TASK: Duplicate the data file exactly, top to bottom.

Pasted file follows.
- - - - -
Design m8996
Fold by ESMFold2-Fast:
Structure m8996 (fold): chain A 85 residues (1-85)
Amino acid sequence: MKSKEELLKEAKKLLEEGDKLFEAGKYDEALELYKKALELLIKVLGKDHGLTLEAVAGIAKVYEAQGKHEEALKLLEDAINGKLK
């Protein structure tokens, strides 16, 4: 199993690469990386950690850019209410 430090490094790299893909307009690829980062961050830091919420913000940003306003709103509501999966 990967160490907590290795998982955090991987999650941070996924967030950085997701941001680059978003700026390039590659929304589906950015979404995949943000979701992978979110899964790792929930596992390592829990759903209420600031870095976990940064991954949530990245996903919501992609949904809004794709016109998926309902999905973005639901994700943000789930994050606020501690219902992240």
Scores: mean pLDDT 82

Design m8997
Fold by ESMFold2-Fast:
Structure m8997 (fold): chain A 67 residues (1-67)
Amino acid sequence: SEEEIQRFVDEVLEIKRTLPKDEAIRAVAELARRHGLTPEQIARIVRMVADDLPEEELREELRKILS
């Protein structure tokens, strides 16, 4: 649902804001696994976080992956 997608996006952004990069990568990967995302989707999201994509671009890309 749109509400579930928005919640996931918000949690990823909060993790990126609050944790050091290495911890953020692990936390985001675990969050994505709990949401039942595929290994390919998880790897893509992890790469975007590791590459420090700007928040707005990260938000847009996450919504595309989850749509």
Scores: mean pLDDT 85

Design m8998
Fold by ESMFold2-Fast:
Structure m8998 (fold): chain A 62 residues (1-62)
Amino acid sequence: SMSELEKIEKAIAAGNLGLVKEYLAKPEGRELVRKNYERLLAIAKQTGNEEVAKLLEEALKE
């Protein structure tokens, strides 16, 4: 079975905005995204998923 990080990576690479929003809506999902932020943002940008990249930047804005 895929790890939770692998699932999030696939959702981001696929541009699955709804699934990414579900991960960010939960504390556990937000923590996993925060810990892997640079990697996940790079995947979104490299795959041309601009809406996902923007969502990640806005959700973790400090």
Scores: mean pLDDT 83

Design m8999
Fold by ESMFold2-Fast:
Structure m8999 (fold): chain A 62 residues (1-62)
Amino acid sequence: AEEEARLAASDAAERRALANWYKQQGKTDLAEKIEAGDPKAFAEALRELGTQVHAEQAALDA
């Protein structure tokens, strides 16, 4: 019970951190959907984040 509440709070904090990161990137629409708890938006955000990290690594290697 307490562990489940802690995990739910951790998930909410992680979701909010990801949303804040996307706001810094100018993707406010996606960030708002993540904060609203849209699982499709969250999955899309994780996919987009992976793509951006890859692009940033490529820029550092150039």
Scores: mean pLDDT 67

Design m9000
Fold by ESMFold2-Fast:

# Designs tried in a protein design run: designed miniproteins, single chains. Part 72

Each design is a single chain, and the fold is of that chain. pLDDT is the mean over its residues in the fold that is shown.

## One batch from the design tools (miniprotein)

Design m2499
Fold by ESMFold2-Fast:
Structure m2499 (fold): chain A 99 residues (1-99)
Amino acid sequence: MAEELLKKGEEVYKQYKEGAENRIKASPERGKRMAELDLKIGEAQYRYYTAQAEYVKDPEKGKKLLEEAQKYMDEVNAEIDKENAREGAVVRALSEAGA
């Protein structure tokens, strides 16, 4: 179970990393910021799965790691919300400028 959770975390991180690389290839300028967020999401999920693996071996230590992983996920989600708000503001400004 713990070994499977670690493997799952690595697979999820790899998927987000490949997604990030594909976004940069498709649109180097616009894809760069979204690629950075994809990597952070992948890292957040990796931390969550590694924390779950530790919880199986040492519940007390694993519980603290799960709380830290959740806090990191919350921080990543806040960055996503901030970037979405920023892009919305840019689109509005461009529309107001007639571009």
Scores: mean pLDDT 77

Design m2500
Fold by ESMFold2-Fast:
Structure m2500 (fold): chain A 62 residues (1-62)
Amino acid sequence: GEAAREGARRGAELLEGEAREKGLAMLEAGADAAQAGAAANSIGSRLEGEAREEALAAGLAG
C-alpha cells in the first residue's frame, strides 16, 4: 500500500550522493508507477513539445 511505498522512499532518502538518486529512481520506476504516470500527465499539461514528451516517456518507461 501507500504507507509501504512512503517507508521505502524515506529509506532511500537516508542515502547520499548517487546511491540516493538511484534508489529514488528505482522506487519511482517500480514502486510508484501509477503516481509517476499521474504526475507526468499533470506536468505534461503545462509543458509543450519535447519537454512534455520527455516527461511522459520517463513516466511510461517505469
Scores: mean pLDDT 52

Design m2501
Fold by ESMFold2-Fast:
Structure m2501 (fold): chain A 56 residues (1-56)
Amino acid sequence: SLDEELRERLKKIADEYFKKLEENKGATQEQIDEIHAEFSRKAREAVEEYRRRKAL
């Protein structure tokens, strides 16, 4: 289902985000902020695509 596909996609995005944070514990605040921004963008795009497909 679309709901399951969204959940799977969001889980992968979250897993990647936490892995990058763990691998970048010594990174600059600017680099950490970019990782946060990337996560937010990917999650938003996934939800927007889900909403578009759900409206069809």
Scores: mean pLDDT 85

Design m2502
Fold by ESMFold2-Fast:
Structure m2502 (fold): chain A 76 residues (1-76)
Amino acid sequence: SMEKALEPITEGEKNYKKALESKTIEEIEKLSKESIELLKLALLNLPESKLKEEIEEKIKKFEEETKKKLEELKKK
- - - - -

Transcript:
Design m8996
Fold by ESMFold2-Fast:
Structure m8996 (fold): chain A 85 residues (1-85)
Amino acid sequence: MKSKEELLKEAKKLLEEGDKLFEAGKYDEALELYKKALELLIKVLGKDHGLTLEAVAGIAKVYEAQGKHEEALKLLEDAINGKLK
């Protein structure tokens, strides 16, 4: 199993690469990386950690850019209410 430090490094790299893909307009690829980062961050830091919420913000940003306003709103509501999966 990967160490907590290795998982955090991987999650941070996924967030950085997701941001680059978003700026390039590659929304589906950015979404995949943000979701992978979110899964790792929930596992390592829990759903209420600031870095976990940064991954949530990245996903919501992609949904809004794709016109998926309902999905973005639901994700943000789930994050606020501690219902992240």
Scores: mean pLDDT 82

Design m8997
Fold by ESMFold2-Fast:
Structure m8997 (fold): chain A 67 residues (1-67)
Amino acid sequence: SEEEIQRFVDEVLEIKRTLPKDEAIRAVAELARRHGLTPEQIARIVRMVADDLPEEELREELRKILS
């Protein structure tokens, strides 16, 4: 649902804001696994976080992956 997608996006952004990069990568990967995302989707999201994509671009890309 749109509400579930928005919640996931918000949690990823909060993790990126609050944790050091290495911890953020692990936390985001675990969050994505709990949401039942595929290994390919998880790897893509992890790469975007590791590459420090700007928040707005990260938000847009996450919504595309989850749509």
Scores: mean pLDDT 85

Design m8998
Fold by ESMFold2-Fast:
Structure m8998 (fold): chain A 62 residues (1-62)
Amino acid sequence: SMSELEKIEKAIAAGNLGLVKEYLAKPEGRELVRKNYERLLAIAKQTGNEEVAKLLEEALKE
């Protein structure tokens, strides 16, 4: 079975905005995204998923 990080990576690479929003809506999902932020943002940008990249930047804005 895929790890939770692998699932999030696939959702981001696929541009699955709804699934990414579900991960960010939960504390556990937000923590996993925060810990892997640079990697996940790079995947979104490299795959041309601009809406996902923007969502990640806005959700973790400090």
Scores: mean pLDDT 83

Design m8999
Fold by ESMFold2-Fast:
Structure m8999 (fold): chain A 62 residues (1-62)
Amino acid sequence: AEEEARLAASDAAERRALANWYKQQGKTDLAEKIEAGDPKAFAEALRELGTQVHAEQAALDA
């Protein structure tokens, strides 16, 4: 019970951190959907984040 509440709070904090990161990137629409708890938006955000990290690594290697 307490562990489940802690995990739910951790998930909410992680979701909010990801949303804040996307706001810094100018993707406010996606960030708002993540904060609203849209699982499709969250999955899309994780996919987009992976793509951006890859692009940033490529820029550092150039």
Scores: mean pLDDT 67

Design m9000
Fold by ESMFold2-Fast:

# Designs tried in a protein design run: designed miniproteins, single chains. Part 72

Each design is a single chain, and the fold is of that chain. pLDDT is the mean over its residues in the fold that is shown.

## One batch from the design tools (miniprotein)

Design m2499
Fold by ESMFold2-Fast:
Structure m2499 (fold): chain A 99 residues (1-99)
Amino acid sequence: MAEELLKKGEEVYKQYKEGAENRIKASPERGKRMAELDLKIGEAQYRYYTAQAEYVKDPEKGKKLLEEAQKYMDEVNAEIDKENAREGAVVRALSEAGA
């Protein structure tokens, strides 16, 4: 179970990393910021799965790691919300400028 959770975390991180690389290839300028967020999401999920693996071996230590992983996920989600708000503001400004 713990070994499977670690493997799952690595697979999820790899998927987000490949997604990030594909976004940069498709649109180097616009894809760069979204690629950075994809990597952070992948890292957040990796931390969550590694924390779950530790919880199986040492519940007390694993519980603290799960709380830290959740806090990191919350921080990543806040960055996503901030970037979405920023892009919305840019689109509005461009529309107001007639571009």
Scores: mean pLDDT 77

Design m2500
Fold by ESMFold2-Fast:
Structure m2500 (fold): chain A 62 residues (1-62)
Amino acid sequence: GEAAREGARRGAELLEGEAREKGLAMLEAGADAAQAGAAANSIGSRLEGEAREEALAAGLAG
C-alpha cells in the first residue's frame, strides 16, 4: 500500500550522493508507477513539445 511505498522512499532518502538518486529512481520506476504516470500527465499539461514528451516517456518507461 501507500504507507509501504512512503517507508521505502524515506529509506532511500537516508542515502547520499548517487546511491540516493538511484534508489529514488528505482522506487519511482517500480514502486510508484501509477503516481509517476499521474504526475507526468499533470506536468505534461503545462509543458509543450519535447519537454512534455520527455516527461511522459520517463513516466511510461517505469
Scores: mean pLDDT 52

Design m2501
Fold by ESMFold2-Fast:
Structure m2501 (fold): chain A 56 residues (1-56)
Amino acid sequence: SLDEELRERLKKIADEYFKKLEENKGATQEQIDEIHAEFSRKAREAVEEYRRRKAL
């Protein structure tokens, strides 16, 4: 289902985000902020695509 596909996609995005944070514990605040921004963008795009497909 679309709901399951969204959940799977969001889980992968979250897993990647936490892995990058763990691998970048010594990174600059600017680099950490970019990782946060990337996560937010990917999650938003996934939800927007889900909403578009759900409206069809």
Scores: mean pLDDT 85

Design m2502
Fold by ESMFold2-Fast:
Structure m2502 (fold): chain A 76 residues (1-76)
Amino acid sequence: SMEKALEPITEGEKNYKKALESKTIEEIEKLSKESIELLKLALLNLPESKLKEEIEEKIKKFEEETKKKLEELKKK